THE STUDENT REVOLVING DOOR
The restaurant industry is the leading employer of teenagers and students. According to National Restaurant Association, one-third of all working teenagers in the U.S. are employed in a restaurant and 27% of all food and beverage employees are enrolled in school. Students often work in the hospitality industry as a way to earn fast cash before they graduate. In fact, students rarely work full-time while they are pursuing their college degree. This could cause conflict between the employer and employee due to changes in school and work schedules. As a restaurant manager, it is necessary to understand the likelihood of losing student employees.
COMPETING FOR RESOURCES
Turnover rates increase when the economy is doing well. This is due to a higher number of opportunities at other restaurants and businesses. You’re not just competing for customers anymore, but for valuable workers. Forbes labels a strong economy as a catalyst for high employee turnover. “More jobs mean more choice for workers looking for the right company fit. When an organization no longer seems like a good match, an employee is more likely to move on.”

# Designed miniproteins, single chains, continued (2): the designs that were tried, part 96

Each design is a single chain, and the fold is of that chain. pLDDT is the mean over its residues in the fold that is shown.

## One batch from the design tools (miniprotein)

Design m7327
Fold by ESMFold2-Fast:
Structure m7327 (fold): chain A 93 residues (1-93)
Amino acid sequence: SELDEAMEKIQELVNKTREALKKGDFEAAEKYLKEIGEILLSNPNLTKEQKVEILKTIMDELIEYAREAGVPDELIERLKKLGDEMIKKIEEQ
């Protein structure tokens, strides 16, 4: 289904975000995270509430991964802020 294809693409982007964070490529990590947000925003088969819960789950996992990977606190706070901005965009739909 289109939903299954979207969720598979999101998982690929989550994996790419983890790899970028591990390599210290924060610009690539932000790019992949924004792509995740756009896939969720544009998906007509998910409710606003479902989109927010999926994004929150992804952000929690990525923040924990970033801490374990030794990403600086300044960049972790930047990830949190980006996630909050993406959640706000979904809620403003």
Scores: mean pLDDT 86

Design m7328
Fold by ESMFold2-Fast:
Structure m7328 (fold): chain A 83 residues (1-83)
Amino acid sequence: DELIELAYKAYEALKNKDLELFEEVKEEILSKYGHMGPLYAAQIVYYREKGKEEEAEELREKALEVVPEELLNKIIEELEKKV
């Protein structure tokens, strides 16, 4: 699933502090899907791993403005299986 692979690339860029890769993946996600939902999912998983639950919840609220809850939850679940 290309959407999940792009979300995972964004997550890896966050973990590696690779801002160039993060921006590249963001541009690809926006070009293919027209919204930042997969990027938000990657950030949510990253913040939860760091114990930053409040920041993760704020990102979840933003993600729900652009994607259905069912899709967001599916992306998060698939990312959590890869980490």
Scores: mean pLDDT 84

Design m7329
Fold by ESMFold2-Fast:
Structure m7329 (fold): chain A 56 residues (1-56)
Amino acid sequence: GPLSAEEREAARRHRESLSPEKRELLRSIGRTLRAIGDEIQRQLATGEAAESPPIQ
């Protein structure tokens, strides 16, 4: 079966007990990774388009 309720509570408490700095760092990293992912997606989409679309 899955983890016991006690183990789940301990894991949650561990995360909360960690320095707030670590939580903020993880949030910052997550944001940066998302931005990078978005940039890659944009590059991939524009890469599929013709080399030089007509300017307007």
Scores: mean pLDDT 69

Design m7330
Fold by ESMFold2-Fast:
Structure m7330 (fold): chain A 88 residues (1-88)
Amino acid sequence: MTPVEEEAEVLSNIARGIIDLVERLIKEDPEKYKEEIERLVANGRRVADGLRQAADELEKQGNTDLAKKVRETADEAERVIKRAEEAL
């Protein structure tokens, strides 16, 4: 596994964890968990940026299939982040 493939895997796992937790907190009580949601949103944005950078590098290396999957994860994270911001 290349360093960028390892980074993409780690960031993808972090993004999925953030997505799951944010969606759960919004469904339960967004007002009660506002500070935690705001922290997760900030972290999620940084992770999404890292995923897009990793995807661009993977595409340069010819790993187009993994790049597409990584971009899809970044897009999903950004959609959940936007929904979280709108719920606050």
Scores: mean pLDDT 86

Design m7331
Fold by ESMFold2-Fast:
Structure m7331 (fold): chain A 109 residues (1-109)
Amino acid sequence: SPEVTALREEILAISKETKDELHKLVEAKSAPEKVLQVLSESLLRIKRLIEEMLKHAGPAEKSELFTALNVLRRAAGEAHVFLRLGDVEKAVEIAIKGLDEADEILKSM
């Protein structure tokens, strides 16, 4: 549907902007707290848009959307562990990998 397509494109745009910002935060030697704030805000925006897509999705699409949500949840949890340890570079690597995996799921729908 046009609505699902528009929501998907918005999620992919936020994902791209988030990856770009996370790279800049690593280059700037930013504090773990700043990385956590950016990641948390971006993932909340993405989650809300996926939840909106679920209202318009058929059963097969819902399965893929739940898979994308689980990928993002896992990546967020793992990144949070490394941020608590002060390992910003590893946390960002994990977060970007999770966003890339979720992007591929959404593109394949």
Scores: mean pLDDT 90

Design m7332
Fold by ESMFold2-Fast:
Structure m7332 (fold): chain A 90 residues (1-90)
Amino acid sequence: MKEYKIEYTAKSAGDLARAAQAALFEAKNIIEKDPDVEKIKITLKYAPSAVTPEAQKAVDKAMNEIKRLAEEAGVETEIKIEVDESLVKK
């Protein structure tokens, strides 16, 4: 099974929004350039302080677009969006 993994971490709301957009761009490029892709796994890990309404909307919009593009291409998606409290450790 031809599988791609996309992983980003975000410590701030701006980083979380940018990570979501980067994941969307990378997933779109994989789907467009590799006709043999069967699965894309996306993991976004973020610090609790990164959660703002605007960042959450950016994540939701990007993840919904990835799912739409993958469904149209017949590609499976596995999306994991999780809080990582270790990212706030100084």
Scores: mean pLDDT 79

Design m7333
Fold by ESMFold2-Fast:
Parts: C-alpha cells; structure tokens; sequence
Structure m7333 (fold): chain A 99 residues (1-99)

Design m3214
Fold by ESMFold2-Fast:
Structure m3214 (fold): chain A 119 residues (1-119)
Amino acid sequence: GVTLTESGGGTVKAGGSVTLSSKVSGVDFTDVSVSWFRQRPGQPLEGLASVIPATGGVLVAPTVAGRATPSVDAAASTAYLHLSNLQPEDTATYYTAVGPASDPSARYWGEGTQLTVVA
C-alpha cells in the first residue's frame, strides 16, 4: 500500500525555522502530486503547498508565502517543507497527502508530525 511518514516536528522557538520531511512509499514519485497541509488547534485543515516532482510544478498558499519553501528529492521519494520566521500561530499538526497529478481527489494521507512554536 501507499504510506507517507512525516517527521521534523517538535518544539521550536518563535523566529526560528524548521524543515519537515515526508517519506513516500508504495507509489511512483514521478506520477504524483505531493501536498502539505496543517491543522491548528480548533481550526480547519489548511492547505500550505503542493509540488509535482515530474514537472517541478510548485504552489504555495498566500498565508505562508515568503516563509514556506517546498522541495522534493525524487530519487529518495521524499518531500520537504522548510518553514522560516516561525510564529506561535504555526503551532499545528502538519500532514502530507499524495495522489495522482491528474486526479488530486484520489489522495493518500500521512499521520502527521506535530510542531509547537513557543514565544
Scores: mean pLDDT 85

Long hours, low pay, little recognition, and poor work culture can contribute to high turnover rates. If you’re not paying any attention to employee’s states-of-mind, they’re likely to leave. Recognizing that each employee has a life outside of the restaurant is crucial in keeping them around. Make it a habit to inquire about your employees’ family, school, or hobbies. Know what your staff is doing outside of the restaurant and show that you care about their work-life balance. Understanding their outside life is important, but creating an engaging internal culture is just as vital. The New York Times reports that “employees are engaged when they feel productive, think they are contributing to their company’s mission, have trust and confidence in their managers and are given the opportunity to grow and advance — not necessarily by climbing the corporate ladder, but by learning new skills.” Creating a valuable company culture isn’t easy, so we’ll be posting another blog soon that explains how to do so.
THE REASON COULD BE THE SEASON
Some employees leave with the seasons. The National Restaurant Association reports that there are more than 500,000 restaurant jobs added in the summer… up North that is. In Florida, summer is the slow season. Fewer customers mean fewer tips: a server’s worst nightmare. Regardless of where you live, during off-seasons, front-of-the-house staff suffer and may seek employment in another industry.
Although you don’t have control over economic and seasonal issues, you can prevent losing employees by becoming familiar with the risks and providing a supportive, inviting company culture. Read more about some of the ways you can curb turnover rates here.
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